The Newbies Lift Off - Makaya McCraven

from the album Universal Beings (2018)

I love kinetic architecture and art.

I love visiting buildings designed by master designers. like John Portman and Santiago Calatrava, and the simply sitting in - and around - them.  Glass elevators, movable sunscreens, and revolving rooftops captivate me.

I love the sculptures that you find in modern public spaces. The works are often inspired by the masters of the post-WWII kinetic art movement, like Vladimir Tatlin and Alexander Calder.  They remind me of exquisite earrings dangling from a beautiful woman made of glass and steel.

I love large, well designed airports.  They are purposeful and inspirational.  Their landscapes kinetic, under a symphony of arriving and departing airplanes; all specialized vehicles delivering fuel, baggage, and booze; and the flow of passengers moving through the buildings.

Airports are beautiful.

I love being alone in a bustling airport, noise-cancelling coconut shells on my head, listening to great music.  It seems to me that the right music can perfectly complete the experience.  It also works well late at night, when the airport is nearly vacant.

I love Brian Eno's 1978 album Ambient 1: Music For Airports.  It infuses loops and samples, along with magnificent wordless vocals and ringing piano chords, into early electronic music.  Listening to it in an airport's open space can stimulate clarity and creativity like few other records.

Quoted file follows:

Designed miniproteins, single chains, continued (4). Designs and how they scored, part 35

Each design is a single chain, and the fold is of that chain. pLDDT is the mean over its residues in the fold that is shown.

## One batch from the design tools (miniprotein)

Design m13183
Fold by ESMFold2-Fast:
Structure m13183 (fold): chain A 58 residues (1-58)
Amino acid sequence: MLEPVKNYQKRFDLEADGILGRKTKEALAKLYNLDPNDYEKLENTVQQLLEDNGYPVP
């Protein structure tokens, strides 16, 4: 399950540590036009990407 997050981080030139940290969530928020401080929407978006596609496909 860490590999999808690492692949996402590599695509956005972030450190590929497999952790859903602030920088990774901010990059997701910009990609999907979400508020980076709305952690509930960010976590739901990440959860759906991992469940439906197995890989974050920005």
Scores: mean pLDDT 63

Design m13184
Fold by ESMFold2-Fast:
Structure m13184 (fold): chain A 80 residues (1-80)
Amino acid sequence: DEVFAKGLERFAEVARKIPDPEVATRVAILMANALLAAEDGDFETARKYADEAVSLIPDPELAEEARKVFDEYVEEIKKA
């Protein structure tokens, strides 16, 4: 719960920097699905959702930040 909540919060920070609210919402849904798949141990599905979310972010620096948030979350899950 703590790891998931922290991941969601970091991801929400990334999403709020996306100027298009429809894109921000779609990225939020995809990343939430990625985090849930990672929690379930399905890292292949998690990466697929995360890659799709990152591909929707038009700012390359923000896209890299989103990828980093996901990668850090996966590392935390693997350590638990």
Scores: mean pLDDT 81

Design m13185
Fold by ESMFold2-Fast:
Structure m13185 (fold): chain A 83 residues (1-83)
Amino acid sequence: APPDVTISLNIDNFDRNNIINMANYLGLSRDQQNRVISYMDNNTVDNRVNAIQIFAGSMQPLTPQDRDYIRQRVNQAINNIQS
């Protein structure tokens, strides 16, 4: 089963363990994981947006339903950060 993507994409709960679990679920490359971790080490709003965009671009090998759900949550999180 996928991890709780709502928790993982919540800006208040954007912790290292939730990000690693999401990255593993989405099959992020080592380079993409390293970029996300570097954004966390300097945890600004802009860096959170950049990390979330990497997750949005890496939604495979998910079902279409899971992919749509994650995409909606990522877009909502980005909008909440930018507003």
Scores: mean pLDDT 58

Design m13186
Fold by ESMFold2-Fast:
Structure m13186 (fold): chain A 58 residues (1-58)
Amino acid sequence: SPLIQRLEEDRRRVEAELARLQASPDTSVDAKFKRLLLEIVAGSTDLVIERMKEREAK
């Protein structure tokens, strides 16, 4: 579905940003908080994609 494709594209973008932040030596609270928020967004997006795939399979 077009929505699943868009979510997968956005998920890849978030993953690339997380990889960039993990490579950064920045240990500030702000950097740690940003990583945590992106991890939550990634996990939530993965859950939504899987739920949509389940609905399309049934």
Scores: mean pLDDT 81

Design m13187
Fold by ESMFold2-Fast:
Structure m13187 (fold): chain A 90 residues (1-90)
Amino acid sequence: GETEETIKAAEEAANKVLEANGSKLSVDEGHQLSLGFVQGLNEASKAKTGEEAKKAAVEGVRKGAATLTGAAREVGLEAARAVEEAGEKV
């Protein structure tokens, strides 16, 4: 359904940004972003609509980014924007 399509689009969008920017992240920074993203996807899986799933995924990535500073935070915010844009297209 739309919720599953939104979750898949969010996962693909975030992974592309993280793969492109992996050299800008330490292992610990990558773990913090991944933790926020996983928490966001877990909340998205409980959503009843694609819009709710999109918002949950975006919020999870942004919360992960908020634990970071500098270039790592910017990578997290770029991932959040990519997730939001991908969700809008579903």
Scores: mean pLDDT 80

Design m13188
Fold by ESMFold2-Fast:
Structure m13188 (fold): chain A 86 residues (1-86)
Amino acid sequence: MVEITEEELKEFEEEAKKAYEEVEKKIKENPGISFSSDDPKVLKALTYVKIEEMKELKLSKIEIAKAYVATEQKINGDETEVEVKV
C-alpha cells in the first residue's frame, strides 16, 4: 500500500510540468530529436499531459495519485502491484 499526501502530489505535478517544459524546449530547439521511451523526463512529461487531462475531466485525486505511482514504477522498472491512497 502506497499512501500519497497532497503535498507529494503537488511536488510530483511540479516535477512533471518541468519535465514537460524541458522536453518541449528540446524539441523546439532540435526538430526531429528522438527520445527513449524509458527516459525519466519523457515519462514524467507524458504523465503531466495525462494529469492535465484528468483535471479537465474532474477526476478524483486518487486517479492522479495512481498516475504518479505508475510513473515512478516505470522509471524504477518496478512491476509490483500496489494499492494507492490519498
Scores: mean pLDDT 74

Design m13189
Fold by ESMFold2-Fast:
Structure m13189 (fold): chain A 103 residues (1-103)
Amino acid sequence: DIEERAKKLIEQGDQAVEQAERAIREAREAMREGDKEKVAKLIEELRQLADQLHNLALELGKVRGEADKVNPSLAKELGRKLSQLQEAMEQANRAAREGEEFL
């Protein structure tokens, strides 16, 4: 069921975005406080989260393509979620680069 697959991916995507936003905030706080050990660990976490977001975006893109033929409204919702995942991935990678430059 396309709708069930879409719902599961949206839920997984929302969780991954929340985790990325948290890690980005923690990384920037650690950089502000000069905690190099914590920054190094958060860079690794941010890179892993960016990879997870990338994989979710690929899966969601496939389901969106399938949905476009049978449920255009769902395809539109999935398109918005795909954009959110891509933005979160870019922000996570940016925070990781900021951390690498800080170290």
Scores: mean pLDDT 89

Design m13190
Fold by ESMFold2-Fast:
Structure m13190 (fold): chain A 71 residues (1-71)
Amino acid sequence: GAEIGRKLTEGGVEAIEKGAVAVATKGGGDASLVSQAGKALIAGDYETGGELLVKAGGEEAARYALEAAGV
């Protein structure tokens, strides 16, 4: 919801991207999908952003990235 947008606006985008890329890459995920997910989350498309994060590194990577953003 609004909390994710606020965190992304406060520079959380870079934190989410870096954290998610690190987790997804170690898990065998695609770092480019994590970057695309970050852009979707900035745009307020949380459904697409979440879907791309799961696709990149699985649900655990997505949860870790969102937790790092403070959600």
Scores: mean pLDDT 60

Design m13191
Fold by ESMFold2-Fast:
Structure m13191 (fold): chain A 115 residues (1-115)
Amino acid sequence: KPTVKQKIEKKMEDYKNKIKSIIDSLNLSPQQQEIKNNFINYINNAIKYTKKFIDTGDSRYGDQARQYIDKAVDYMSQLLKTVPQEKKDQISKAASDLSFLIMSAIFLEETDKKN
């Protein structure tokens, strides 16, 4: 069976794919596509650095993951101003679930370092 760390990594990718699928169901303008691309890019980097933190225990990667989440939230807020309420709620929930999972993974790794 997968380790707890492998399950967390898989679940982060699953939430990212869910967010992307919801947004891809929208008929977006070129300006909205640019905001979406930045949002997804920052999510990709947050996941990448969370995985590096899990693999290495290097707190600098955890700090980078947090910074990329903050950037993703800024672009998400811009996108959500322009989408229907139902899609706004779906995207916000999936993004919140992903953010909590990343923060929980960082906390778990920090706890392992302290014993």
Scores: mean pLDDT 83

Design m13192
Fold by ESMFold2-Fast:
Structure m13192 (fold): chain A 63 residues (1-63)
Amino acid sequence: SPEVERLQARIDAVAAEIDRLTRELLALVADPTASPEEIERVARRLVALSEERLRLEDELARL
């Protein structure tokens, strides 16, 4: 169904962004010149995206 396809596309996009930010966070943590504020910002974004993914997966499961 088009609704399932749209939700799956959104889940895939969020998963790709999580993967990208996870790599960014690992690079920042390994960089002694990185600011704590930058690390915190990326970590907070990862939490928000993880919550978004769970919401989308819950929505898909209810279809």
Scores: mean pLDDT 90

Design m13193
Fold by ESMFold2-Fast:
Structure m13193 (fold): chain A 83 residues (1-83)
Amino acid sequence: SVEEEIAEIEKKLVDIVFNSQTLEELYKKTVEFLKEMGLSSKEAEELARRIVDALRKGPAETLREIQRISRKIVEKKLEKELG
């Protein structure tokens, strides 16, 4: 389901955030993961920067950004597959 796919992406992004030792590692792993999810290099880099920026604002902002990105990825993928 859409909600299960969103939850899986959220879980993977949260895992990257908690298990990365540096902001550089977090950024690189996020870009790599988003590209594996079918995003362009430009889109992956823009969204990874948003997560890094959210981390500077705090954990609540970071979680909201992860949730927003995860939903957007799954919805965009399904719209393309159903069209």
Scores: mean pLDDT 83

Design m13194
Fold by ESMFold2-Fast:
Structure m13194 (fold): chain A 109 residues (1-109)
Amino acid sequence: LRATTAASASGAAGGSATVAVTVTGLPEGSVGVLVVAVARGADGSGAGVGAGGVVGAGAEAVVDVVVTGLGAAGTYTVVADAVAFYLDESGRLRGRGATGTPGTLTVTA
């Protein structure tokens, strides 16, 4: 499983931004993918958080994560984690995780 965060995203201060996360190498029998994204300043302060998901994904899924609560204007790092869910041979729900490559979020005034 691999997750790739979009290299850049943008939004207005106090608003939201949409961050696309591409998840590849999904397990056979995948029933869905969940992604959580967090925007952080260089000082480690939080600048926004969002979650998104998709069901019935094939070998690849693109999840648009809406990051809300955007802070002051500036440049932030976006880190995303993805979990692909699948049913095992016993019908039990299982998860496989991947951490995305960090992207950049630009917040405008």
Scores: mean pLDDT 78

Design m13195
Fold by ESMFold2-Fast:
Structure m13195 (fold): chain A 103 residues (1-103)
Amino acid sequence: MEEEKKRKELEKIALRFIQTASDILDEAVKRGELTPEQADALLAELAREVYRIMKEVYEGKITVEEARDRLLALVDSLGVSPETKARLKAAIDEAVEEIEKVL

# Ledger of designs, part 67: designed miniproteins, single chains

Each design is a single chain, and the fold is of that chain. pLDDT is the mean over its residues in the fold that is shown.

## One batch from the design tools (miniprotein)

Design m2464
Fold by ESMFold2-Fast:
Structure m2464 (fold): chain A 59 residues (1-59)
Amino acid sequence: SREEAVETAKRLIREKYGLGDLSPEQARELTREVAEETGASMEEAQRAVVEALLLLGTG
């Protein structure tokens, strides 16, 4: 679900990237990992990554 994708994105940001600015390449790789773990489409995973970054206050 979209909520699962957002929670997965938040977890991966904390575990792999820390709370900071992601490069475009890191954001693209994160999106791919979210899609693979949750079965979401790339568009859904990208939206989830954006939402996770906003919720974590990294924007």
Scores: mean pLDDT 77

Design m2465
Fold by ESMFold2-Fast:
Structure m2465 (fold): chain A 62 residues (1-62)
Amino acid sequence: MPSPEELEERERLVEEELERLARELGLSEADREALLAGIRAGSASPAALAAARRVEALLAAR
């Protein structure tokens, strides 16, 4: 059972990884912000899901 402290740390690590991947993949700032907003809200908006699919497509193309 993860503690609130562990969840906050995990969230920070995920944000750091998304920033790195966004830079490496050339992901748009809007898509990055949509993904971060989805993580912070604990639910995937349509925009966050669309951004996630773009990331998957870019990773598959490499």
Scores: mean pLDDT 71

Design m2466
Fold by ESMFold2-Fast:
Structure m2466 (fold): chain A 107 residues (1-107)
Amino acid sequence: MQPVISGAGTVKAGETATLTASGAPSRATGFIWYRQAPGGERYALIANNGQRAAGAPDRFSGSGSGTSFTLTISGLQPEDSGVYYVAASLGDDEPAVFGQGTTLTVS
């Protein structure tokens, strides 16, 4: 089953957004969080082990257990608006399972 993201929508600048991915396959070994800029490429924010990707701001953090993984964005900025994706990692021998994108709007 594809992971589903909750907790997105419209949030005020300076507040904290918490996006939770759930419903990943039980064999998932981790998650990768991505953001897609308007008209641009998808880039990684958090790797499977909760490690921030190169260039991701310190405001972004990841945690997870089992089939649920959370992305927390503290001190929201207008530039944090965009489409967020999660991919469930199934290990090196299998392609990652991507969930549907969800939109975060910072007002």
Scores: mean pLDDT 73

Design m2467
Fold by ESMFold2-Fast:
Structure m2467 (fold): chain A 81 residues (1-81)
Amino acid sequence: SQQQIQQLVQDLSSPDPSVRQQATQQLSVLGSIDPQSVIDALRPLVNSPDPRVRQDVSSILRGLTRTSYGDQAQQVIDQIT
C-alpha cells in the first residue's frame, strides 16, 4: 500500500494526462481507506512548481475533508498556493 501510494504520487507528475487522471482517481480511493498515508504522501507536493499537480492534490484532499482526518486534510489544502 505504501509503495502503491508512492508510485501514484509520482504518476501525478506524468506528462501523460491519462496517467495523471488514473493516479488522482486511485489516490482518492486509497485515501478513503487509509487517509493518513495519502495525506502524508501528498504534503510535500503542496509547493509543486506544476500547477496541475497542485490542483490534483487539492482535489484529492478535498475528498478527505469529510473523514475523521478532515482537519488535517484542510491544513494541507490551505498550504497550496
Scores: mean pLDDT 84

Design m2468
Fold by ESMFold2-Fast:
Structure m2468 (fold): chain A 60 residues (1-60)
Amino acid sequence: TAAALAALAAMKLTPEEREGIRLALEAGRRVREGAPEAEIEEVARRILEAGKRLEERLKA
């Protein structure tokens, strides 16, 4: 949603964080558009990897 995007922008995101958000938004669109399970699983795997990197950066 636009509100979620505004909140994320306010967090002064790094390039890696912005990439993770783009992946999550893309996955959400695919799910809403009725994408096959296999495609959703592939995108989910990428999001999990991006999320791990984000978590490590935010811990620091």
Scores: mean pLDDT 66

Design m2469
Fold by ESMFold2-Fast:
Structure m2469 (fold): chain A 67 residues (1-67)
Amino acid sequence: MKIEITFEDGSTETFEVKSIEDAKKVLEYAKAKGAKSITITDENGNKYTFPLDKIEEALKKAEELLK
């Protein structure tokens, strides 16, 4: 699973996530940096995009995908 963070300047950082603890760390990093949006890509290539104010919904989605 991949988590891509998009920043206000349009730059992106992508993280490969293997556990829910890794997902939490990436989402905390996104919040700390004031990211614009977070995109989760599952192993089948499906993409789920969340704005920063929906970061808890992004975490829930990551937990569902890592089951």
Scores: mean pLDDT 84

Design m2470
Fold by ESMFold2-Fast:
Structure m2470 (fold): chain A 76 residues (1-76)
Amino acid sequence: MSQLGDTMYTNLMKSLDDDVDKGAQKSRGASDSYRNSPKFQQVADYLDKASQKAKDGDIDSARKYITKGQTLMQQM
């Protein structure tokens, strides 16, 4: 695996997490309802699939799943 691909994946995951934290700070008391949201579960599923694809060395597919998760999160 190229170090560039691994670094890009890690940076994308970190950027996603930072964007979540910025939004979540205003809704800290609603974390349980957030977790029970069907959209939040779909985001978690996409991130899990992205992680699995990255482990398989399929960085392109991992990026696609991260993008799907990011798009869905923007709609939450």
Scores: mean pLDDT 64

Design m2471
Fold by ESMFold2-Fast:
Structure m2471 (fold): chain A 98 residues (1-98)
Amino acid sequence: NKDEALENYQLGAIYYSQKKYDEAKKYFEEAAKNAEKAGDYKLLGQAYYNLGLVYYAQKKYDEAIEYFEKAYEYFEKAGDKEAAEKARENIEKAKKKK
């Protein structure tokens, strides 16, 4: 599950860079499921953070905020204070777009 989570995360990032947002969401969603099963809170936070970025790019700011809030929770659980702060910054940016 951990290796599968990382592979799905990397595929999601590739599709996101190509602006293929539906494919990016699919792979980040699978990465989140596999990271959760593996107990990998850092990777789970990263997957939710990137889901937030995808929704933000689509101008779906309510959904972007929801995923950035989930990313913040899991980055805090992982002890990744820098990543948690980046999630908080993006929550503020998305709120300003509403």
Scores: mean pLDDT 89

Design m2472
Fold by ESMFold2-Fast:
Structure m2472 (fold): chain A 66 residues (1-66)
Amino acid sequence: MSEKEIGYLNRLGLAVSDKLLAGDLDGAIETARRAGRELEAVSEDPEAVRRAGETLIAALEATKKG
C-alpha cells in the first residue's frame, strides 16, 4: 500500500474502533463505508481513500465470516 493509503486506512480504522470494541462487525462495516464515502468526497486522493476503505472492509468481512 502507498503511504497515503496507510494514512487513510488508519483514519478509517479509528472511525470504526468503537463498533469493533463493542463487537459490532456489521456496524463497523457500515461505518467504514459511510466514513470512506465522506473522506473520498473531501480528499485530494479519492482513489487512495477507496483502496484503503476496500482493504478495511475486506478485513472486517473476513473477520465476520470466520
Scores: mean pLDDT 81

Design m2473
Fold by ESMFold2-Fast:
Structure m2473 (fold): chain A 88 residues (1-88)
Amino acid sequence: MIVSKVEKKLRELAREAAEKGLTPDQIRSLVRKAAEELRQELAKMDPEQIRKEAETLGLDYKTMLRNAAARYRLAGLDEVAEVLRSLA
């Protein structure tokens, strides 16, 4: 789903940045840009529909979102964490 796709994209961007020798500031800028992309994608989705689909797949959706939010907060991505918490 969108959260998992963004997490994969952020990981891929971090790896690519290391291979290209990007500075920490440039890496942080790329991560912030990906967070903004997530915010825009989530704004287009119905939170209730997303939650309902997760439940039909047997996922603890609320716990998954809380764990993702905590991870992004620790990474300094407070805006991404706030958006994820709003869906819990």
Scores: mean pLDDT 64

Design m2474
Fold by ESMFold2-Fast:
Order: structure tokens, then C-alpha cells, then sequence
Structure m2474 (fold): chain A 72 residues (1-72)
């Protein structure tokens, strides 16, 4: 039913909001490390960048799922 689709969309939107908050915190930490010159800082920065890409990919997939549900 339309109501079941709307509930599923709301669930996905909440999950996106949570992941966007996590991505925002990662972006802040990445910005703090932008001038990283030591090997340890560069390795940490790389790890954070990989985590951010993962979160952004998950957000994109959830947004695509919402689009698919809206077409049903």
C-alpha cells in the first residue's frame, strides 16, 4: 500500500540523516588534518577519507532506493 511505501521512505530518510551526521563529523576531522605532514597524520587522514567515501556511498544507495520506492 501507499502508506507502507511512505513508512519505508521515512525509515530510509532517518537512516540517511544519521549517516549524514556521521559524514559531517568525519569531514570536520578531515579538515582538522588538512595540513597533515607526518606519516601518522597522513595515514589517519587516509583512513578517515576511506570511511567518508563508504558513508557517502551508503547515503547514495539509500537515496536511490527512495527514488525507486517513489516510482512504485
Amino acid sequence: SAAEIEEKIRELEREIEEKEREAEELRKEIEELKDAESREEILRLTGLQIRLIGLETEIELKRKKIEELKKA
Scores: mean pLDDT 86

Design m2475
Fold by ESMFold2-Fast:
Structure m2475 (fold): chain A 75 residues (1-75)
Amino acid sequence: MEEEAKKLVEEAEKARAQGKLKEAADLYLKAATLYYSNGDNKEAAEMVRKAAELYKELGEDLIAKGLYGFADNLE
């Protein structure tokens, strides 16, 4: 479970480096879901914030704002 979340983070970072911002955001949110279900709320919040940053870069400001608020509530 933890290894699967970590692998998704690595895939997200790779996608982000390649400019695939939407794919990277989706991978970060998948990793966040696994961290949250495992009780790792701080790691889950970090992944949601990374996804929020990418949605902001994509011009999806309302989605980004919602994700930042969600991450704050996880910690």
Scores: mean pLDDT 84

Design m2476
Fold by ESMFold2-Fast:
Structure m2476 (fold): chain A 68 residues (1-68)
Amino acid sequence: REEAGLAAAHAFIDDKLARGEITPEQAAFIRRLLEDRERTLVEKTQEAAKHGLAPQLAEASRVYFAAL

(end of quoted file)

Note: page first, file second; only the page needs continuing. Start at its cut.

I love the interconnectedness between these varied generations and mediums of art.  Together they achieve near perfection.  Mid-twentieth century art, coupled with early electronic music, in twenty-first century structures designed for humans at the dawning Information Age.

I would love to meet and spend time with the humans who are making art today that will integrate into a future world.  I would love to understand their vision, their essence.

One of those people is Makaya McCraven, a thirty-five year old jazz drummer from Paris who produces some of the best musical compositions of the decade.    His uses the tools of the times to cut, edit, and splice recording sessions with fellow jazz musicians around the world.  The product is reminiscent of electronica - or hip hop - with much finer source material.

When I listen to songs on his latest album - like The Newbies Lift Off - I think about some person, decades from now, listening.  I wonder what their world is like.  I wonder how songs like this might fit into their life.  I wonder what other things from this decade will fit into their life.

And I wonder about the art that that person might make and how it will fit into the world a century from now.

What will great public space look like then?  Where can you find it now?

Click Here to listen to The Newbies Take Off by Makaya McCraven.

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